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Please be aware that this old REACH registration data factsheet is no longer maintained; it remains frozen as of 19th May 2023.

The new ECHA CHEM database has been released by ECHA, and it now contains all REACH registration data. There are more details on the transition of ECHA's published data to ECHA CHEM here.

Diss Factsheets

Administrative data

basic toxicokinetics
Type of information:
other: Expert review and assessment derived from available information
Adequacy of study:
key study
2 (reliable with restrictions)
Rationale for reliability incl. deficiencies:
data from handbook or collection of data

Data source

Reference Type:
other company data
Report date:

Materials and methods

Test guideline
no guideline available
Principles of method if other than guideline:
Expert review of available data
GLP compliance:

Test material

Reference substance name:
Cashew Nutshell Extract, Decarboxylated (Technical Grade)
Cashew Nutshell Extract, Decarboxylated (Technical Grade)

Results and discussion

Main ADME resultsopen allclose all
Absorbed via the gastro-intestinal tract (rate and extent of absorption cannot be elucidated from the data available)
Absorbed to a limited degree across the skin barrier (rate and extent of absorption cannot be elucidated from the data available). The irritancy of the test substance may affect the permeability of the skin barrier.

Any other information on results incl. tables

There are no toxicokinetic studies that have directly addressed the absorption, distribution, metabolism, or excretion of Technical Grade, whichis a UVCB with the main components (comprising ~81% of content) being the four forms of the alkylphenol cardanol (i.e. the monoene, diene, triene and saturated side chain) and larger size, higher molecular weight polymeric constituents. Other alkylphenols (such as cardol and methylcardol) are present at lower levels. However, information on these processes have been inferred based upon the properties of the chemical and the results of reliable and relevant short- and longer-term mammalian toxicity tests based on guidance given in ECHA (2017).

Systemic availability of the different forms of cardanol depends on their ability to cross biological membranes (such as the skin, the gastrointestinal tract and the respiratory tract epithelium of the lungs). Physico-chemical parameters that affect toxicokinetic processes include water solubility, lipophilicity (characterized by the log of the octanol-water partition coefficient, log Kow), degree of ionization (as defined by the dissociation constant, pKa), and molecular size. The physical state of Technical Grade is an oily liquid at ambient temperature which is very lipophilic, with an estimated log Kowof 6.2. Technical Grade has a low measured water solubility of 0.2 mg/l, but the constituents of the test substance are not readily ionisable.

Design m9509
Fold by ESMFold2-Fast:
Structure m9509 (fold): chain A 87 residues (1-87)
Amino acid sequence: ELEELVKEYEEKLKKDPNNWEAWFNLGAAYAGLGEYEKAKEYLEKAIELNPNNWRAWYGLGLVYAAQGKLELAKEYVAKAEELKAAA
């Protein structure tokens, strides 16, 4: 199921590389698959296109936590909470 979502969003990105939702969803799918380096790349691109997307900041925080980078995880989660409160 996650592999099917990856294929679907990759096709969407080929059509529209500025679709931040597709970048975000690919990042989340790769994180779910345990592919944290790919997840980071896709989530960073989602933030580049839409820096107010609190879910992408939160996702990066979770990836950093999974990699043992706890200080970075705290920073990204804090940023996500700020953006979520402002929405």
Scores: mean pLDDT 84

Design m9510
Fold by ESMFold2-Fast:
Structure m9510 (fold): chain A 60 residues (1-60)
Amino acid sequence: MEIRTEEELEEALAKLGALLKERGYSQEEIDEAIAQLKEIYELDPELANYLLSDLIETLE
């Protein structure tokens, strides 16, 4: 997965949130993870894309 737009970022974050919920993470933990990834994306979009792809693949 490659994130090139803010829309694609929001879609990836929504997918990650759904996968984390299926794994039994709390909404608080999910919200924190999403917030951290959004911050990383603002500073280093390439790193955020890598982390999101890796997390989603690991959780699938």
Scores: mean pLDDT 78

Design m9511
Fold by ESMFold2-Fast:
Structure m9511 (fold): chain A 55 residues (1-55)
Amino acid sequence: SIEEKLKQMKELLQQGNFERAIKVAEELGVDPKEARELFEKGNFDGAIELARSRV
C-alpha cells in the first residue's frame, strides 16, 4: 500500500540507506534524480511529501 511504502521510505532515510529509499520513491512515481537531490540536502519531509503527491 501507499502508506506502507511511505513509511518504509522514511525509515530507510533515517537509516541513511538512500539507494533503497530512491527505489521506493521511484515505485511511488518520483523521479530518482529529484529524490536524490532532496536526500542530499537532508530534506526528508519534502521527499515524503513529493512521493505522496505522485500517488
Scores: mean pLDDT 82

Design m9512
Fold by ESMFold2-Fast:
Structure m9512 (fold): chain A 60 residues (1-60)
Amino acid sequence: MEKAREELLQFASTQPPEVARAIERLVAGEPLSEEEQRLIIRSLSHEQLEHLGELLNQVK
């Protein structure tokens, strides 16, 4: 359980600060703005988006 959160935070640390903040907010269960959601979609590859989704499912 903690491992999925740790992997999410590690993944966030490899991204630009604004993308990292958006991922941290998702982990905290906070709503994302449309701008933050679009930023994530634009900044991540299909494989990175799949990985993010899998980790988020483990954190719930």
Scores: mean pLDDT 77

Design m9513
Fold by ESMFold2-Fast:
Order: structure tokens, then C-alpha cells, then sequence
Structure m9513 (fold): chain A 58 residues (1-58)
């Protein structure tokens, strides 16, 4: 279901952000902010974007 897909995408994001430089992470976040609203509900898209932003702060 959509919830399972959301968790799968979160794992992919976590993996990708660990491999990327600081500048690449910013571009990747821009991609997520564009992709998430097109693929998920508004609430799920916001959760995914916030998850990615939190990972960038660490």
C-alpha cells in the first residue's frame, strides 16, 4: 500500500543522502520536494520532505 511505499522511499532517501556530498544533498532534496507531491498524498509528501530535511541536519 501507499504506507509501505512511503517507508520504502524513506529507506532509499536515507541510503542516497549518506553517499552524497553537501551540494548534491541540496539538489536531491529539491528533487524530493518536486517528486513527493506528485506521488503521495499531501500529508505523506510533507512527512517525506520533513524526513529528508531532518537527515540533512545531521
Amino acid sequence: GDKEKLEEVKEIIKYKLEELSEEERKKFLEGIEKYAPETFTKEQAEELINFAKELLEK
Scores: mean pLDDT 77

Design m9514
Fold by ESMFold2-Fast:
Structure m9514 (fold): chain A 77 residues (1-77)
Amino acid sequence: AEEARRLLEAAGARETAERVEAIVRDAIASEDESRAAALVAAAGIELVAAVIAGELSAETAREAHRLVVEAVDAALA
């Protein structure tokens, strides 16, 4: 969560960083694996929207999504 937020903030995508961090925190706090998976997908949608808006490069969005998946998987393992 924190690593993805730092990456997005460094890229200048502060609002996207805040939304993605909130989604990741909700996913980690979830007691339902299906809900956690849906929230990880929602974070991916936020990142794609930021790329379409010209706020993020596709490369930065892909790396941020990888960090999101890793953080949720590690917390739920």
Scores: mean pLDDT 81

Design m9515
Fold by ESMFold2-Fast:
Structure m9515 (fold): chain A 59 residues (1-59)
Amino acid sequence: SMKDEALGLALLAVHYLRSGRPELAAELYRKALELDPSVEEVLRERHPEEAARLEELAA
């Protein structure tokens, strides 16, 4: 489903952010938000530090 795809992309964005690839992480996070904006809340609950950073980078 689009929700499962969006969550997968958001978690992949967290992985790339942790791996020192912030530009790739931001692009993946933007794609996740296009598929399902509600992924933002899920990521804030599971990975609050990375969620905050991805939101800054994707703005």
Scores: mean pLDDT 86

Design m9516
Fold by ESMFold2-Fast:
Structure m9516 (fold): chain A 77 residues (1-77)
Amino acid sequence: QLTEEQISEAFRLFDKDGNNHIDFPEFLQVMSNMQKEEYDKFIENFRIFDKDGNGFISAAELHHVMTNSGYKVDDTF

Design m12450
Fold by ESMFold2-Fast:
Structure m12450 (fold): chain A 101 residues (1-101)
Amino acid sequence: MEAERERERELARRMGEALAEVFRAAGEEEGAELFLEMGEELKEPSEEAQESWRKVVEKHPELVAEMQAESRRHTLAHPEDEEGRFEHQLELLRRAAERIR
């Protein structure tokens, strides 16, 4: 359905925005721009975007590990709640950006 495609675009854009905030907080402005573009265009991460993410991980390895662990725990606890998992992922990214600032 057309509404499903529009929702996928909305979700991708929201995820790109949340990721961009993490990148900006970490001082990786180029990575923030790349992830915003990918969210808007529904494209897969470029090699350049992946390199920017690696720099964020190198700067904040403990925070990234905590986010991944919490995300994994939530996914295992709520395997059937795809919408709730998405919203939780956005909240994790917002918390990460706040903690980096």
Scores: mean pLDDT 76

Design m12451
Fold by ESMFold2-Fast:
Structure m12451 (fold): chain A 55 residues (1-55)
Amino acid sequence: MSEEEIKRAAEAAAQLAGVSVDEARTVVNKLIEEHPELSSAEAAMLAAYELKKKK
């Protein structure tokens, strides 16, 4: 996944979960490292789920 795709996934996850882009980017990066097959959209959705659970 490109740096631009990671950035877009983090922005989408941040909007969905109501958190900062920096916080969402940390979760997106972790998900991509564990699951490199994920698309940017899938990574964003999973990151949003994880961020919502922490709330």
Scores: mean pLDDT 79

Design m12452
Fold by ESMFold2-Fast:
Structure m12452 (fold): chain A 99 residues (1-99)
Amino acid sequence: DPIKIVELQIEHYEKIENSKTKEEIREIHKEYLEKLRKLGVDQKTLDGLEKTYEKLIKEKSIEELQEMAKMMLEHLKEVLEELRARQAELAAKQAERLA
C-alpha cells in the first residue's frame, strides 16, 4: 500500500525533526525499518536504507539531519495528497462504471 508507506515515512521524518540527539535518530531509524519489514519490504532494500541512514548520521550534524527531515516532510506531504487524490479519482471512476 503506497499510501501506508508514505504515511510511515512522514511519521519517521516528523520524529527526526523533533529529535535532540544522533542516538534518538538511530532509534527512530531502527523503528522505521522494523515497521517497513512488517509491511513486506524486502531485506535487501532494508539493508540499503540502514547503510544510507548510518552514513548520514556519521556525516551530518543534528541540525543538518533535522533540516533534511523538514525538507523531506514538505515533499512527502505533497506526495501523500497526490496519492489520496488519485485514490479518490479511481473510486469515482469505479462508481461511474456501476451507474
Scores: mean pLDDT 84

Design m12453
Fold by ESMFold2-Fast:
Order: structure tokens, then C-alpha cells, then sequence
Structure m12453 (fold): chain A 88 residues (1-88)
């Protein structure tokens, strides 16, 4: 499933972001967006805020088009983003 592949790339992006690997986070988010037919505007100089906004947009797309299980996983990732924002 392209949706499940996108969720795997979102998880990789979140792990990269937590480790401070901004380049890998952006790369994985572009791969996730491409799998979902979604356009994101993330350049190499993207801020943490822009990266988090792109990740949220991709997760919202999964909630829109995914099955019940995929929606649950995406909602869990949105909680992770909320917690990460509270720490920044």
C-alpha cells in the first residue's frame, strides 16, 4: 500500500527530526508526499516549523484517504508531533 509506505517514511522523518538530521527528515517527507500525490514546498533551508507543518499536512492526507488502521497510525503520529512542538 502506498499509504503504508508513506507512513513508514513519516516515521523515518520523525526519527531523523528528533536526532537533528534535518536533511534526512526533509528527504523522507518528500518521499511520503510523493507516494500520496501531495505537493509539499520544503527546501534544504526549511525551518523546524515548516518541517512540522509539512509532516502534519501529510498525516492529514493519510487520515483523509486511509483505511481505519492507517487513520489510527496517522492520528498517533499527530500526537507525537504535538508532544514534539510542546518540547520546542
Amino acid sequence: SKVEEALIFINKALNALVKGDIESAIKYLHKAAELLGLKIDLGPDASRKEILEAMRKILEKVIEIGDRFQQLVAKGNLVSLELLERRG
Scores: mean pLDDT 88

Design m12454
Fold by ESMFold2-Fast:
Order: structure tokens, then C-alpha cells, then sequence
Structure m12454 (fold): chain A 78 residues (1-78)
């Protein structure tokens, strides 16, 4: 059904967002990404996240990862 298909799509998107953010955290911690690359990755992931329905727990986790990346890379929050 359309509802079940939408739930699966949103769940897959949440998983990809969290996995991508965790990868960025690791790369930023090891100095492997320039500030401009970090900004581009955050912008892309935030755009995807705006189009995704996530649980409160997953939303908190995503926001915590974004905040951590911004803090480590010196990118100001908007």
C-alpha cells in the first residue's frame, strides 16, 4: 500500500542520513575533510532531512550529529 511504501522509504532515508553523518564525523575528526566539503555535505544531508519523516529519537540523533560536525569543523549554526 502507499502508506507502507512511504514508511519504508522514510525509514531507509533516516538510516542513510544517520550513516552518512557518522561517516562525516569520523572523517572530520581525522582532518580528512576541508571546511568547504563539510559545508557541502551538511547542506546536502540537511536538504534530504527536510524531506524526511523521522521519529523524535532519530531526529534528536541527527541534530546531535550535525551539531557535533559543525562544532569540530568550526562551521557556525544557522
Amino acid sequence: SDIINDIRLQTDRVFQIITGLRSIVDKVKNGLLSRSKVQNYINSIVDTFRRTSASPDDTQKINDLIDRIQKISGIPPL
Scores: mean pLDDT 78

Absorption:The only likely route of absorption of the different constituents of Technical Grade is viadermalexposure due to the typical use patterns of the test substance identified in the exposure scenarios given in the Risk Characterisation Exercise. However, the lipophilicity of the different forms of cardanol (estimated log Kow values >8.31for all forms) and their molecular weights (298 to 304 g/mole) means that the expected rate of transfer of substances between the stratum corneum (the non-viable layer of corneocytes forming a complex lipid membrane that must be first penetrated) and the epidermis (which is resistant to penetration by highly lipophilic substances) will be slow and will limit absorption across the skin. In addition uptake of the Technical Grade constituents into the stratum corneum itself may also be slow unless any damage to the skin surface caused by the substance (an identified irritant) enhances penetration (ECHA, 2017). Technical Grade also contains a high proportion of larger size and higher molecular weight polymeric constituents which are expected to have more limited absorption through the skin than the different forms of cardanol. Evidence for limited skin absorption is provided by an Acute Dermal Toxicity study (OECD TG402) on another grade of CNSL (Distilled Grade) where Wistar rats that were exposed to a single dose of 2000 mg/ kg body weight for 24 hours showed no signs of systemic toxicity throughout the 14-day observation period. Signs of systemic toxicity would be an indication that absorption has occurred. At the end of the test all animals were subjected to an external examination and opening of the abdominal and thoracic cavities. No abnormalities were noted at necropsy.